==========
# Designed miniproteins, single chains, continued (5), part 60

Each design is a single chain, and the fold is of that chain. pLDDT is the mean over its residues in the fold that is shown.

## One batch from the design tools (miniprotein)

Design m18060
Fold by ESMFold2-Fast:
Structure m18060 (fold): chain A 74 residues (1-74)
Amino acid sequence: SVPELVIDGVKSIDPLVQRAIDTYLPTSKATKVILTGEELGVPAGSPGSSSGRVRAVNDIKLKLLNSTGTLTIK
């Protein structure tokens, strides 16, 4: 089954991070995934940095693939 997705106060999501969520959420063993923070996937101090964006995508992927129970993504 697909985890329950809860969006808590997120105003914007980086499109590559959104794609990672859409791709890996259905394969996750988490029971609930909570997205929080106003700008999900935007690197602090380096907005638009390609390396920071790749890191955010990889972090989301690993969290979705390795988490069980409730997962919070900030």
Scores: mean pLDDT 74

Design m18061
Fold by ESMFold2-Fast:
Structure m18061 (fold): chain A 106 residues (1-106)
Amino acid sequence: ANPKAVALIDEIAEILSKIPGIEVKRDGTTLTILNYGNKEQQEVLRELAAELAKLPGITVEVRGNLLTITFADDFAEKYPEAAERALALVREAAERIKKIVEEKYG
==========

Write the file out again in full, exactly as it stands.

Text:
# Designed miniproteins, single chains, continued (5), part 60

Each design is a single chain, and the fold is of that chain. pLDDT is the mean over its residues in the fold that is shown.

## One batch from the design tools (miniprotein)

Design m18060
Fold by ESMFold2-Fast:
Structure m18060 (fold): chain A 74 residues (1-74)
Amino acid sequence: SVPELVIDGVKSIDPLVQRAIDTYLPTSKATKVILTGEELGVPAGSPGSSSGRVRAVNDIKLKLLNSTGTLTIK
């Protein structure tokens, strides 16, 4: 089954991070995934940095693939 997705106060999501969520959420063993923070996937101090964006995508992927129970993504 697909985890329950809860969006808590997120105003914007980086499109590559959104794609990672859409791709890996259905394969996750988490029971609930909570997205929080106003700008999900935007690197602090380096907005638009390609390396920071790749890191955010990889972090989301690993969290979705390795988490069980409730997962919070900030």
Scores: mean pLDDT 74

Design m18061
Fold by ESMFold2-Fast:
Structure m18061 (fold): chain A 106 residues (1-106)
Amino acid sequence: ANPKAVALIDEIAEILSKIPGIEVKRDGTTLTILNYGNKEQQEVLRELAAELAKLPGITVEVRGNLLTITFADDFAEKYPEAAERALALVREAAERIKKIVEEKYG